Climate Change and Sea Level Rise

In simplified summary, the problem is this: increasing carbon dioxide in the atmosphere causes an increase in global temperature; this warming causes polar ice to melt; this extra, warmer water causes sea-level rise; and this causes flooding problems for our cities, which are built on low-lying coastal margins.

The world's climate scientists agree that 'greenhouse' gases (including carbon dioxide CO2, methane, nitrous oxide, and water vapour), trap heat in the atmosphere and so contribute to global warming. Carbon dioxide is the longest-lived greenhouse gas and therefore the biggest driver of climate change. The amount of carbon dioxide in the atmosphere has risen by 40% since pre-industrial times, and now stands at levels unprecedented in at least the last 800,000 years [8]. The Intergovernmental Panel on Climate Change (IPCC), based on input from the world’s climate scientists, agree that this rise is certain (beyond reasonable doubt) to have been caused by human activity, mainly through the release of greenhouse gases into the atmosphere from the burning of fossil fuels since the start of the Industrial Revolution (about 1800) [8].

Figure 1 shows historical levels of CO2 over the last 400,000 years, reconstructed from ice- core samples. Note that over this very long period of time, CO2 concentration has never gone above 300 parts per million (ppm). Note too the very sharp increase to more than 400 ppm in recent times, consistent with human activity in the Industrial Revolution.

Figure 1: Historical levels of CO2 (Source: NASA [16])

Figure 2 shows CO2 levels increasing since 2005, based on modern, direct measurements. The upward trend is very clear.

Figure 2: Global CO2 levels since 2005, with seasonal variation removed
(Source: NASA/NOAA [16])

As CO2 rises, so global temperature has been measured to rise. Figure 3 shows global temperature rise from 1880. Once again, the upward trend is very clear. This graph illustrates the change in global surface temperature relative to 1951-1980 average temperatures. The 10 warmest years in this 134-year record have all occurred since 2000, with the exception of 1998. The year 2015 ranks as the warmest on record so far [16].

Contrary views

Using a scientific approach or otherwise, some authors have attempted to show that global warming is not occurring, or if it is, then it is not produced by human activity (anthropogenic). These arguments have been discussed and refuted in several places, most notably the Skeptical Science website [17]. See also Paper 10 in the ESR series for a discussion of the psychological aspects of our response to climate change [18].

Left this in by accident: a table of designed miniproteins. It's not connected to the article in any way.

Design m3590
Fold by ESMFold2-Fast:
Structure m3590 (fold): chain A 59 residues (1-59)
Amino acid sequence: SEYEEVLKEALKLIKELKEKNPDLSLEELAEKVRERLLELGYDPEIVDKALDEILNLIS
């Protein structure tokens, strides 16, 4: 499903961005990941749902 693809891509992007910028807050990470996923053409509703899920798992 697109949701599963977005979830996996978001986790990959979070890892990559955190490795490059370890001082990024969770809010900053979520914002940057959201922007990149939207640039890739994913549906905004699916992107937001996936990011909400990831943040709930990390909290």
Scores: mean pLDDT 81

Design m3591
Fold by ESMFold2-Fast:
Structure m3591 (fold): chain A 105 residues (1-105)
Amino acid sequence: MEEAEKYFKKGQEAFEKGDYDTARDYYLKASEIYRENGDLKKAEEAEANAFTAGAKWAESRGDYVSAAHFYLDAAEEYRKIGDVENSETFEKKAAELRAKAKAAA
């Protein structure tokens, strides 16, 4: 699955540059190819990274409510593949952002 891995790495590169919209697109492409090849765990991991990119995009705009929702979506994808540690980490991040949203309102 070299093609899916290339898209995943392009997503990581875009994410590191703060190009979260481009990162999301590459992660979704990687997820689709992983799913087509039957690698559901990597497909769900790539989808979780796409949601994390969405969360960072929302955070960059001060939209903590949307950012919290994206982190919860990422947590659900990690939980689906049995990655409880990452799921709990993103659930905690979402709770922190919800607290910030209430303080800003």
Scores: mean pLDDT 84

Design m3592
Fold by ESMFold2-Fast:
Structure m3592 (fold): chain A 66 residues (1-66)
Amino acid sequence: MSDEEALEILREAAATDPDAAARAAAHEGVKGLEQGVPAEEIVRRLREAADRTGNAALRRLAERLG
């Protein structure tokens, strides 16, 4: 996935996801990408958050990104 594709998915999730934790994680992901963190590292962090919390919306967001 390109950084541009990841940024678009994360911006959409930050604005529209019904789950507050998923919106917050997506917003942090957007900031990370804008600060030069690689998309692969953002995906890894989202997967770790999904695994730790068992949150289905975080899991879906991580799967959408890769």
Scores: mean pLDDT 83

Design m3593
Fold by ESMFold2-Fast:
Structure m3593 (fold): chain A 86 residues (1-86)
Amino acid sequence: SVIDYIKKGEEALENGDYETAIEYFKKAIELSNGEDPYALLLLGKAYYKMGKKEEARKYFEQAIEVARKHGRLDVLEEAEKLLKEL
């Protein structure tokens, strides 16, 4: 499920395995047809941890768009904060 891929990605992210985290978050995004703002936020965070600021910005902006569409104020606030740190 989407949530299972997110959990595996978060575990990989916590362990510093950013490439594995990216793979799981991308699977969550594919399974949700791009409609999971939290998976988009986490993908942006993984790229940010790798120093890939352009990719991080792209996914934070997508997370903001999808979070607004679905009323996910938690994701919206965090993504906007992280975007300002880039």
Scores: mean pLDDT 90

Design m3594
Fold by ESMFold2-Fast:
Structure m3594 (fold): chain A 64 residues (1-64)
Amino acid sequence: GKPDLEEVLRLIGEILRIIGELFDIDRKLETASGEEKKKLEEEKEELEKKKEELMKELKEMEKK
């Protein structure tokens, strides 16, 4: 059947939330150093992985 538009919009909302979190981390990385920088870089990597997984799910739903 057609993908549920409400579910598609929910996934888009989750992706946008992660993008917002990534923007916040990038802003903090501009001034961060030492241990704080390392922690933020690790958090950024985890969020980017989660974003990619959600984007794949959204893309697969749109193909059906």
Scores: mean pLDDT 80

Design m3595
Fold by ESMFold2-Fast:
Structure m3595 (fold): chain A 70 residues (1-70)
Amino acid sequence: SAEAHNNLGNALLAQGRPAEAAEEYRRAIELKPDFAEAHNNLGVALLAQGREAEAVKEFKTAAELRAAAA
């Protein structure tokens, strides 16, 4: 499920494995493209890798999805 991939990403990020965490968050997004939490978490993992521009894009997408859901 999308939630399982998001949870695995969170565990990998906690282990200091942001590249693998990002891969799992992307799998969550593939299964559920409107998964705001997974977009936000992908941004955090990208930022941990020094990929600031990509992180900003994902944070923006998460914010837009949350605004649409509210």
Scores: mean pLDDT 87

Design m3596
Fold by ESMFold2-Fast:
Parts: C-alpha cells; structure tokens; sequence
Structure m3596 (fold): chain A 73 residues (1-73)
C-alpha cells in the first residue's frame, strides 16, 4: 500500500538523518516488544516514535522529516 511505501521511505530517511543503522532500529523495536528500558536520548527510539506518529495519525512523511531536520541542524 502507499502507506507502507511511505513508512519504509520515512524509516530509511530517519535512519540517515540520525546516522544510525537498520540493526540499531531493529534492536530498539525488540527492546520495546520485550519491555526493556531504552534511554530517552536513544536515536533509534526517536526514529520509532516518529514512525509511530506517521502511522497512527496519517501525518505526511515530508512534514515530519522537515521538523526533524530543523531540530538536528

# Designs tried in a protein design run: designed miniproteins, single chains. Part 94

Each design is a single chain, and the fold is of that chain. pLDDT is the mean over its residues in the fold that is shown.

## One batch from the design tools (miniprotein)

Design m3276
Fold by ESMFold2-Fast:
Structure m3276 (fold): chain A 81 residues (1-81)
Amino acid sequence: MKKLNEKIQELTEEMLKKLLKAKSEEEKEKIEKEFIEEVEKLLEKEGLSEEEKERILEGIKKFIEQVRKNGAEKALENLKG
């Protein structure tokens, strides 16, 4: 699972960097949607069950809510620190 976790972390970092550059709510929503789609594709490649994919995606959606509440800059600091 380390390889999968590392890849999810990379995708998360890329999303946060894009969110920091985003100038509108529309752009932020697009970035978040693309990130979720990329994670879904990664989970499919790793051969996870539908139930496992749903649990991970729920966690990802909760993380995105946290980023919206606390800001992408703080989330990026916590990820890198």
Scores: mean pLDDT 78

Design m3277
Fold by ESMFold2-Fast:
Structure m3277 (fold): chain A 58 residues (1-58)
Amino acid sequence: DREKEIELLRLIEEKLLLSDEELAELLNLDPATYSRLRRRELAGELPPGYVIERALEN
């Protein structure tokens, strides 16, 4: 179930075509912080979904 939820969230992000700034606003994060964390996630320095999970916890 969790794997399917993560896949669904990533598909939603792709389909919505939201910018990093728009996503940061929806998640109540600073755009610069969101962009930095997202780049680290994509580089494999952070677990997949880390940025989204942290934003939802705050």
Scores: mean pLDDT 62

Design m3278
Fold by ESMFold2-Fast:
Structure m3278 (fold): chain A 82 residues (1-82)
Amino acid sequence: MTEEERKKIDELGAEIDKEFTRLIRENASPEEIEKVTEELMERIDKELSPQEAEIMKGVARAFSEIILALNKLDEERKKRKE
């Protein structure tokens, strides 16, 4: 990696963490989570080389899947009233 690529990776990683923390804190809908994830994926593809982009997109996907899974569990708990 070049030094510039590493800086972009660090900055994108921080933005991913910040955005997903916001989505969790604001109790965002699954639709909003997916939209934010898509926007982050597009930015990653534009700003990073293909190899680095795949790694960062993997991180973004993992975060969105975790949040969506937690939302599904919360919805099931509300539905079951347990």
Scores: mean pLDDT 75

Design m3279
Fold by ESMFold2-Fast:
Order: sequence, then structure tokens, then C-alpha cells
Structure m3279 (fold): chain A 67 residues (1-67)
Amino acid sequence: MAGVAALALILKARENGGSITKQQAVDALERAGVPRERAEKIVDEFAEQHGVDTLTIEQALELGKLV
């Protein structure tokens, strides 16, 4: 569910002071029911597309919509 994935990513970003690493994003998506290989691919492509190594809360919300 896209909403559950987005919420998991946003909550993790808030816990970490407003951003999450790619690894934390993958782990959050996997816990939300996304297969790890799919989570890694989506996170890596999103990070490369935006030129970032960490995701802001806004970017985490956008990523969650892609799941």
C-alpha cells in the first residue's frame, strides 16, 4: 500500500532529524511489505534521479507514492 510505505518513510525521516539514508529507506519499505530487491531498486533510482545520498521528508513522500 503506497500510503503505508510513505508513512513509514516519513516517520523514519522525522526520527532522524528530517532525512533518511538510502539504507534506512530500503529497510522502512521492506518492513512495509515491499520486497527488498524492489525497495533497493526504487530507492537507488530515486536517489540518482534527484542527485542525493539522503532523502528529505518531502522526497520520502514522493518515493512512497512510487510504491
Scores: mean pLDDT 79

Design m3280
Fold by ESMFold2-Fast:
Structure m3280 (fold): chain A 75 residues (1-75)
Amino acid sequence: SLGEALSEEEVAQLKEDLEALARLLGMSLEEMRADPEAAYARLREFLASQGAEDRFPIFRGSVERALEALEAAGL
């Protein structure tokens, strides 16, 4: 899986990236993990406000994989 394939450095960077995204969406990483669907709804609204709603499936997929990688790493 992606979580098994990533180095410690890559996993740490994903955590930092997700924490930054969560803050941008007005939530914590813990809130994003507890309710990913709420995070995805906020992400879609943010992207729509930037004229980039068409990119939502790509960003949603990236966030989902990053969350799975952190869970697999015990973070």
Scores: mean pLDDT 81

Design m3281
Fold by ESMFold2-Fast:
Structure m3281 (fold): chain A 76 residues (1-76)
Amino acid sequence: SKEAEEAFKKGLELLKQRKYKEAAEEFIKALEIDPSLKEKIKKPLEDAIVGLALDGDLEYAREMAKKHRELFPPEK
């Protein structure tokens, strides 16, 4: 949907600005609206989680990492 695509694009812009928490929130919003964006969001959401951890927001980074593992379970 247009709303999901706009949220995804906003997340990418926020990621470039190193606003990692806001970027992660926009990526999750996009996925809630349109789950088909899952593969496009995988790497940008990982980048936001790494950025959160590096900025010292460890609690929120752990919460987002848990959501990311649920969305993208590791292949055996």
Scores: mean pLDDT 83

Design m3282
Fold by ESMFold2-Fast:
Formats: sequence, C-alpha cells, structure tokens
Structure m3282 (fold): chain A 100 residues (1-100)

Weather forecasts

Weather forecasts are produced using complex computer models which employ past measurement data. In a similar way, climate scientists can take our knowledge of past events to predict how the climate will behave in the future. Different outcomes are possible within a certain range, depending on factors such as the level of CO2 emissions into the future.

Figure 3: Global temperature rise since 1880 (Source: NASA/GISS [16])

The current predictions are that global warming is likely to heat up the world’s lower atmosphere between 2 and 6°C by the year 2100. Figure 4 shows observed mean global temperature change with time, and IPCC projections for 'business as usual' (red –upper curve) and for a pathway of severe reduction in global emissions and population control (blue – lower curve). These temperature rises may not seem large, but they have huge implications. One of these is the effect on the world’s oceans and land-based ice reservoirs that will cause accelerating sea-level rise.

Figure 4: Observed and projected temperature changes, 1900 - 2100 (Source: IPCC [19])

As surface temperatures rise, there are five important factors contributing to sea-level rise:

  • Ice on the Earth's land surface (e.g., glaciers, ice sheets) melts, contributing more water mass to the oceans.
  • Floating polar ice shelves diminish, reducing the buttressing of large ice sheets in Greenland and Antarctica, by the action of warmer waters underneath.
  • Increases in ocean temperature cause an expansion in the volume of sea water, and therefore an increase in sea level.
  • The melting of floating ice in polar oceans changes the albedo (whiteness), reducing the energy from the sun which can be reflected back into space.
  • Positive feedback mechanisms mean that the rate of polar ice-sheet melting at the higher end is uncertain.

Measurements of global sea level show that it is rising. Figure 5 shows that sea-level has risen about 200 mm since 1870, corresponding to a rise of a little over 1.5 mm per year.

Figure 5: Global mean sea-level since 1870, based on coastal tide gauge records
(Source: NASA/CSIRO16)

More recent measurements (since 1993) of sea-level confirm the upward trend (Figure 6); however, the rate of rise has increased in this more recent period to 3.4 mm/year.

Figure 6: Increasing rate of sea-level rise in recent times (Source: NASA/GISS [16])

Rising sea level means that we can expect low-lying coastal margins to become more frequently inundated, at first intermittently by tides and storms, and finally more permanently.

The 5th IPCC Assessment Report (AR5) provides projections for sea-level rise up to 2100 (Figure 7) for various 'pathways' of surface heating per square metre. These pathways describe different climate futures, all of which are considered possible depending on the quantity of greenhouse gases emitted in the years to come. The highest pathway, RCP 8.5 (brown colour), is essentially 'business as usual' with continued global population growth, while the lowest, RCP 2.6 (blue), represents severe emissions reductions to zero by 2075 and global population decline [8].